By James Tabafunda
Northwest Asian Weekly
In the fourth largest country in the world, in terms of population, people dream of eliminating corruption, climbing out of poverty, and becoming educated.
That country lies in a wide archipelago between the Indian Ocean and the Pacific Ocean. It is four times the size of the state of Texas. Yet, even with 230 million people calling it home, Indonesia is a country that most Americans admit to knowing very little about.
At least that’s what Ismail Budhiarso has experienced.
Budhiarso grew up in Semarang, in the province of Central Java. He immigrated to Seattle in 1993 and currently works as a senior research manager at Health Research Associates.
Beyond his day job, he finds purpose in the CERDAS Foundation, where he serves as president.
Education through CERDAS
In 2001, members of Pengajian-Seattle, a small Indonesian Muslim community in Seattle, worried over the number of economically disadvantaged children in Indonesia who were dropping out of school. They decided to do something about it. They decided to pay the elementary school tuition fees and for school supplies for two students in Subang, West Java.
Ronny Umboh, one of three men on CERDAS Foundation’s board of directors, said, “We’re growing every year, steady, until we’ve reached 127 students [this year].”
“We believe that education is the key to breaking the cycle of poverty,” states the foundation’s website.
CERDAS means intelligent in Indonesian and is a term used to describe a sharp mind.
The foundation, made up of volunteers, provides financial aid to children in Indonesia, so they have equal access to education, regardless of their ethnic, religious, economic, social, or political backgrounds.
“Usually, they don’t have a chance to go to school because they have to help [earn income] for their families. This is one of the biggest problems,” said Budhiarso. “We give a chance to these kids to not only help themselves, but also to help their families.”
Along with a middle class population of about 35 million people, Indonesia has about 33 million living in poverty.
“Most of our kids — they’re all the way from elementary school to high school,” said Budi Danuningrat, the second member of the foundation’s board of directors and a managing partner and vice president of business development at Kirkland-based OSS Integrators.
CERDAS officers are proud of what’s happened since the foundation officially launched in 2007.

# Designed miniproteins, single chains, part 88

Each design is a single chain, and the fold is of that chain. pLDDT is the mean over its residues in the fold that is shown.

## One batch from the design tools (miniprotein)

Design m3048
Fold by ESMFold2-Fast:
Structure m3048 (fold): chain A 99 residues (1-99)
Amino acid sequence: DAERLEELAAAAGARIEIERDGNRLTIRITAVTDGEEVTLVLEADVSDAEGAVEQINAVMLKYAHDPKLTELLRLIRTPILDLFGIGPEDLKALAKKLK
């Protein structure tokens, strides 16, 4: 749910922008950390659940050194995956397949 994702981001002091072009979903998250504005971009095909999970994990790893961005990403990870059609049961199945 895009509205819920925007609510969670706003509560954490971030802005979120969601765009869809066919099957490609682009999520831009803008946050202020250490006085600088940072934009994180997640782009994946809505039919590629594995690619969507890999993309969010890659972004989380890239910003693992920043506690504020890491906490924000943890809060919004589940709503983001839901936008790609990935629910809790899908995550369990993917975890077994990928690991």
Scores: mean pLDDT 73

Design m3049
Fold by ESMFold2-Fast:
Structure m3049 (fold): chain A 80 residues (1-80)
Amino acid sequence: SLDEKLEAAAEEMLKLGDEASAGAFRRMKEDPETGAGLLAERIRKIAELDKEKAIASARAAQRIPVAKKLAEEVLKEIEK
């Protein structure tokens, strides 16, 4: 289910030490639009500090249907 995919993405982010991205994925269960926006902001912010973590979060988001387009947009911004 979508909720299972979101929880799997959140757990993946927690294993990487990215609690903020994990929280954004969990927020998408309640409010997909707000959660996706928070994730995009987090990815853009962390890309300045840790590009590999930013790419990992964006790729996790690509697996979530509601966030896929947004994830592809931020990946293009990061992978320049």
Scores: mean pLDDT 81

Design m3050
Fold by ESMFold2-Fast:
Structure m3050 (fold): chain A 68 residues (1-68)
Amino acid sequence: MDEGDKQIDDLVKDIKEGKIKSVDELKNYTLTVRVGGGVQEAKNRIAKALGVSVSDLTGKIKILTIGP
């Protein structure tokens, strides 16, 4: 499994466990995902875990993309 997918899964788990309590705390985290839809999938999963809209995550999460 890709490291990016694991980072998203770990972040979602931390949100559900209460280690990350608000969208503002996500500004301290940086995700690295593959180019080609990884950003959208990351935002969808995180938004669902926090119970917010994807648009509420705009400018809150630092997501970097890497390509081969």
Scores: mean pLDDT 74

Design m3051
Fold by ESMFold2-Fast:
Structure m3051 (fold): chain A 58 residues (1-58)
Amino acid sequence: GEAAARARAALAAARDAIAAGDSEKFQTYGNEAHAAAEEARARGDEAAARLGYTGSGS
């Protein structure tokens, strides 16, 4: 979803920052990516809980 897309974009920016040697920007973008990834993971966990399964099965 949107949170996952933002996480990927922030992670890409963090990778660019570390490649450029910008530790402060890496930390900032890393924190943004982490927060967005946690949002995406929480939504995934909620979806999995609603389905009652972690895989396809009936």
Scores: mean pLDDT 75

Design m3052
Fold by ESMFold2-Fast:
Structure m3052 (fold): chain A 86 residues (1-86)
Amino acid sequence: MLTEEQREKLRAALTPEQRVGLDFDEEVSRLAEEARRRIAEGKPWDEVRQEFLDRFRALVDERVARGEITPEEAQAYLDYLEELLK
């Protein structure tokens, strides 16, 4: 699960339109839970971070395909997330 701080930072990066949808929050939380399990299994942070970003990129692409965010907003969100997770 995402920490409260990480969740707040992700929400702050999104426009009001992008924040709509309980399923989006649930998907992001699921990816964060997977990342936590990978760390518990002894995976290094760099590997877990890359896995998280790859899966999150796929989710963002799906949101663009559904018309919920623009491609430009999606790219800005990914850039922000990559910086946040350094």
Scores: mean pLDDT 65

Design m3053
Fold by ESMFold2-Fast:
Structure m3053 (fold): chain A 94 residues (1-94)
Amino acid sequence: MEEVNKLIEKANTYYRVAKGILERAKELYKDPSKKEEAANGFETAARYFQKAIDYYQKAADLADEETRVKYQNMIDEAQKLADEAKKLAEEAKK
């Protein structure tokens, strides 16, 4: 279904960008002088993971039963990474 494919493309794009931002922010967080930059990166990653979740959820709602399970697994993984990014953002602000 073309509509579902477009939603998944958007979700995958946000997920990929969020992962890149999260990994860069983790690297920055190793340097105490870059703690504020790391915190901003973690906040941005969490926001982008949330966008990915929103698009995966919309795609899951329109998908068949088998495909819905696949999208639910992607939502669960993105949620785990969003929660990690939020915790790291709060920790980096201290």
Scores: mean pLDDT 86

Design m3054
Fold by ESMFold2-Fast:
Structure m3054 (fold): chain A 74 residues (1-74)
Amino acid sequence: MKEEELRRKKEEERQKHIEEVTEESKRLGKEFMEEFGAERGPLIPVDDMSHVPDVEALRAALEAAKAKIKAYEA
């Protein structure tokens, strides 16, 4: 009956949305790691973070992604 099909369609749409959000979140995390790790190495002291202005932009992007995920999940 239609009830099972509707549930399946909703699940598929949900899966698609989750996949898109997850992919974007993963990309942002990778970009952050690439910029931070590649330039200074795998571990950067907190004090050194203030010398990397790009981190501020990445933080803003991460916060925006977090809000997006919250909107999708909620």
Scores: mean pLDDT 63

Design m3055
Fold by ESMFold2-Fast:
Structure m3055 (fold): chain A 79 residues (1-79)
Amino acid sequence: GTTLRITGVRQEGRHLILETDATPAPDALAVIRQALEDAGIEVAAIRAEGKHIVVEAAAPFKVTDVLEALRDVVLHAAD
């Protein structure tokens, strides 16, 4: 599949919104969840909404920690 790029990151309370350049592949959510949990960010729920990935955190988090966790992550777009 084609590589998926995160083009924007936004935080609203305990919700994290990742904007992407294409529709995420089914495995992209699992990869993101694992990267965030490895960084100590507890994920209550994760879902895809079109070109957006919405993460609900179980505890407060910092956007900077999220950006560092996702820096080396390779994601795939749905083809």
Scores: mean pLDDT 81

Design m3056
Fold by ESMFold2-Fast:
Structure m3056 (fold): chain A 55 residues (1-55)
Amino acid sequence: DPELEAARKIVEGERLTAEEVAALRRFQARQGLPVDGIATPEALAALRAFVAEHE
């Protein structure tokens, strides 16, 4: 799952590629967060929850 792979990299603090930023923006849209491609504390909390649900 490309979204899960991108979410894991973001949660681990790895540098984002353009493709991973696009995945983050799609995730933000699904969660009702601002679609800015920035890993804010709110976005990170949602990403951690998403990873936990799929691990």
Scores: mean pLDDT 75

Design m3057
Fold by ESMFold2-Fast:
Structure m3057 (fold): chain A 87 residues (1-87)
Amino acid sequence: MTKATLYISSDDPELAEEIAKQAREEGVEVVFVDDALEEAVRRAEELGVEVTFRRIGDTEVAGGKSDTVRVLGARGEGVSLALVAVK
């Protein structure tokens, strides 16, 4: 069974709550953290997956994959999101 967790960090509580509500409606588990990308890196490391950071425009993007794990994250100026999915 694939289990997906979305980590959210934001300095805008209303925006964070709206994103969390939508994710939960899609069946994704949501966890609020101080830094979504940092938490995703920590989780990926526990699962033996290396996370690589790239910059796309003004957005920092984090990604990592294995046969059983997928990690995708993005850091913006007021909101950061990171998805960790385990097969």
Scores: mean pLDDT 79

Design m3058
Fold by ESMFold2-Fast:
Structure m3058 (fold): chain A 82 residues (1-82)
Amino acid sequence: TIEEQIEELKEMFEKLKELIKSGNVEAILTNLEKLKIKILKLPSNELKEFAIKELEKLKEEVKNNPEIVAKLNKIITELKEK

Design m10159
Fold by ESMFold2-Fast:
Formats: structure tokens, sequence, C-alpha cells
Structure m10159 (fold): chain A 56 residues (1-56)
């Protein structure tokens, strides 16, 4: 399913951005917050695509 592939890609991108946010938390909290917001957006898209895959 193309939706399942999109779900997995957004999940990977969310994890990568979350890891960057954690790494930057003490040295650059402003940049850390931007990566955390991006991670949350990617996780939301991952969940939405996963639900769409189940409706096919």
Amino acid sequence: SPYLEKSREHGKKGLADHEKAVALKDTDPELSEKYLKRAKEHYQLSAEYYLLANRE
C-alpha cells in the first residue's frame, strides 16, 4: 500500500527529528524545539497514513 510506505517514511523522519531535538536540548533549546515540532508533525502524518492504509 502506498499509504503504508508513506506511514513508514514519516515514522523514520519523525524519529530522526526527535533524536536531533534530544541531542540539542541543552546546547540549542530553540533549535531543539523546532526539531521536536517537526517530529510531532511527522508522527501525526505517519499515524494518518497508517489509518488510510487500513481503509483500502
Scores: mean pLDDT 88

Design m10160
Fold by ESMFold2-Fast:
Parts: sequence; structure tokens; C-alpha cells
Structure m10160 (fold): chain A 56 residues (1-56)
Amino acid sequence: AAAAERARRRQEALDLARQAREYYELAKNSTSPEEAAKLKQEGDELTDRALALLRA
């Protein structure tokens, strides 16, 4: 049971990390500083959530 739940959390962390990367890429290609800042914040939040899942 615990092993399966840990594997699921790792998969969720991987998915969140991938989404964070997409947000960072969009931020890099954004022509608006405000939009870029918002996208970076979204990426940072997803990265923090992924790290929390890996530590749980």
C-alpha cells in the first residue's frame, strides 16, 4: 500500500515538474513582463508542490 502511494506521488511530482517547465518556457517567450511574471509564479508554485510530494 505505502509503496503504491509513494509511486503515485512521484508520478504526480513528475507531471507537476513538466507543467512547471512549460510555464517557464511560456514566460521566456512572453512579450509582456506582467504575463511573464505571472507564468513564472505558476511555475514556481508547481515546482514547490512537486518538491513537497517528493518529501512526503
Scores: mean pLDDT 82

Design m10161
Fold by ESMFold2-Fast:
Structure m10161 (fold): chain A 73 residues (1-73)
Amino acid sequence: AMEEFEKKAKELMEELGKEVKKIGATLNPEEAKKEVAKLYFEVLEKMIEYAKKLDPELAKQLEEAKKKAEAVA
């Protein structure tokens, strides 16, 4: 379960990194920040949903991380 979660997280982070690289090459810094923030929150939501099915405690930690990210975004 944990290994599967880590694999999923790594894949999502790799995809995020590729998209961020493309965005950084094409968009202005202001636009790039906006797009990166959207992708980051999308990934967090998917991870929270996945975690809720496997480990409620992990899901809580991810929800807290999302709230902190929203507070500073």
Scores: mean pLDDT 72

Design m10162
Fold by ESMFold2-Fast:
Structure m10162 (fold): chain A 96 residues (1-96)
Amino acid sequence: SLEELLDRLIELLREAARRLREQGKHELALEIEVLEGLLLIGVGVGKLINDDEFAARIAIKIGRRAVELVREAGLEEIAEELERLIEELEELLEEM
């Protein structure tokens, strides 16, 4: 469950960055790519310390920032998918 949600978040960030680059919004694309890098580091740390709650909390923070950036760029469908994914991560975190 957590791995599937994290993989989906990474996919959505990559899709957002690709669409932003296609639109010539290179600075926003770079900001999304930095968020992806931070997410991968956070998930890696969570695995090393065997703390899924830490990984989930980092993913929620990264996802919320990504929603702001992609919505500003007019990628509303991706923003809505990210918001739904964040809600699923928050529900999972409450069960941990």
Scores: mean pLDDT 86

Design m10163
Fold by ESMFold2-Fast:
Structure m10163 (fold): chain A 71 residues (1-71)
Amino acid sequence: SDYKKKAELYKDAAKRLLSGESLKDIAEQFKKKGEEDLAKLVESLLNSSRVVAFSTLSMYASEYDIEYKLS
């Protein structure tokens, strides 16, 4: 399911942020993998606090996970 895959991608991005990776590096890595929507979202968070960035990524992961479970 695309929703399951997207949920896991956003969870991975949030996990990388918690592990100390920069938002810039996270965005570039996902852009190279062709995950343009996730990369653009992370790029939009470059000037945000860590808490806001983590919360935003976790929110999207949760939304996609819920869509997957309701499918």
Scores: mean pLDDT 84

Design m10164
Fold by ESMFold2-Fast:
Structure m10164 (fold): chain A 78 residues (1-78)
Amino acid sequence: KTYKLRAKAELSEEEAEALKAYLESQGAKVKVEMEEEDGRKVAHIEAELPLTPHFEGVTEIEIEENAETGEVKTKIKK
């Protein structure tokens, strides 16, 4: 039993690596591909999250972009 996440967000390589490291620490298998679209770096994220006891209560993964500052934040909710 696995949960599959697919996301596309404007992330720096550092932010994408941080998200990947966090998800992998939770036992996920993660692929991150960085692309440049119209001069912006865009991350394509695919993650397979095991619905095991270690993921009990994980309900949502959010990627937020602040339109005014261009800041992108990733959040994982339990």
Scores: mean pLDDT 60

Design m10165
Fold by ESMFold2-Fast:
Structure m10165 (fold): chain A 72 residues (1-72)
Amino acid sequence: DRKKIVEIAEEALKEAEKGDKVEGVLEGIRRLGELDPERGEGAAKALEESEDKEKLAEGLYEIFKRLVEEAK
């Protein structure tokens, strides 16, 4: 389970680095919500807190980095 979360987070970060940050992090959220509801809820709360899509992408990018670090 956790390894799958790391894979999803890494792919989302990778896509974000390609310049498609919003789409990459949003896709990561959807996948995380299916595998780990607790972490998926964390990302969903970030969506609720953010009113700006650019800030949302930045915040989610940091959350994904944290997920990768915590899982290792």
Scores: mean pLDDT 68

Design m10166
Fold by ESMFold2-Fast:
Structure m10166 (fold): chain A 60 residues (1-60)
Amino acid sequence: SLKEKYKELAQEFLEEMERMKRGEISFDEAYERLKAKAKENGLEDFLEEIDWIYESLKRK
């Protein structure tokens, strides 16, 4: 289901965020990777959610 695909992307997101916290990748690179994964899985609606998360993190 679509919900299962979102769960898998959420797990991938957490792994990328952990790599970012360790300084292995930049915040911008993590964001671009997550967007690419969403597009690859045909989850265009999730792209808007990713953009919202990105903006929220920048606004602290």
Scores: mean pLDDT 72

“We have a very bright kid who was accepted to one of the most prestigious universities in Indonesia. It’s the MIT (Massachusetts Institute of Technology) of Indonesia, Bandung Institute of Technology, and she has been admitted there,” said Budhiarso, beaming.
Consisting of 17,000 islands — 6,000 inhabited — Indonesia has the world’s largest Muslim population. It is also the world’s third most populous democracy.
Danuningrat said, “We want to make sure [CERDAS] covers all of the religions that exist in Indonesia. In terms of race, there are 33 provinces. There are different cultural backgrounds, and we want to make sure all of those are covered as well.”
“We are open to all different races and religions.”
Indonesia’s diversity differentiates it from other Asian countries. Budhiarso said, “[Its] culture, I think, can be summarized as a mix of a lot of good cultures in the world, [even] European culture, because Indonesia was under Dutch [rule] for a long time.”
Indonesia gained independence in August 1945 from the Netherlands, which agreed to transfer sovereignty in 1949.
The CERDAS Foundation’s second mission is to provide relief assistance to the Southeast Asian country following natural disasters. Indonesia has the highest density of volcanoes in the world — almost 500.
On Dec. 26, 2004, one of the country’s largest earthquakes — magnitude-9.1 to 9.3 off the island of Sumatra — caused a tsunami that killed 226,000 people in 12 countries, including 165,700 Indonesians and 35,400 in Sri Lanka.
The fault line, which runs the entire length of the west coast of Sumatra, is the meeting point of two of the world’s dozen major tectonic plates. Indonesia sits along the Pacific Ring of Fire, a horseshoe-shaped string of faults that line the eastern and western parts of the Pacific.
Mount Merapi, located in Central Java, 250 miles east of Jakarta, began erupting last October, which was followed by more than a dozen explosive blasts and thousands of tremors.
Less than a month later, the CERDAS Foundation distributed $5,645 to the Indonesian Red Cross and Hoshi-Zora.org to help the victims of Merapi and surrounding volcanoes.
The CERDAS Foundation will hold its fourth annual Kids Festival this autumn. In addition to accepting donations, the foundation invites the general public to volunteer to help with outreach efforts and fundraising.
“I think the most important thing is the existence of this organization,” Budhiarso said. “For people from Indonesia, Indonesian Americans and Americans, this organization is a place to know each other.” ♦
For more information about the CERDAS Foundation, go to www.cerdasfoundation.net.
James Tabafunda can be reached at firstname.lastname@example.org.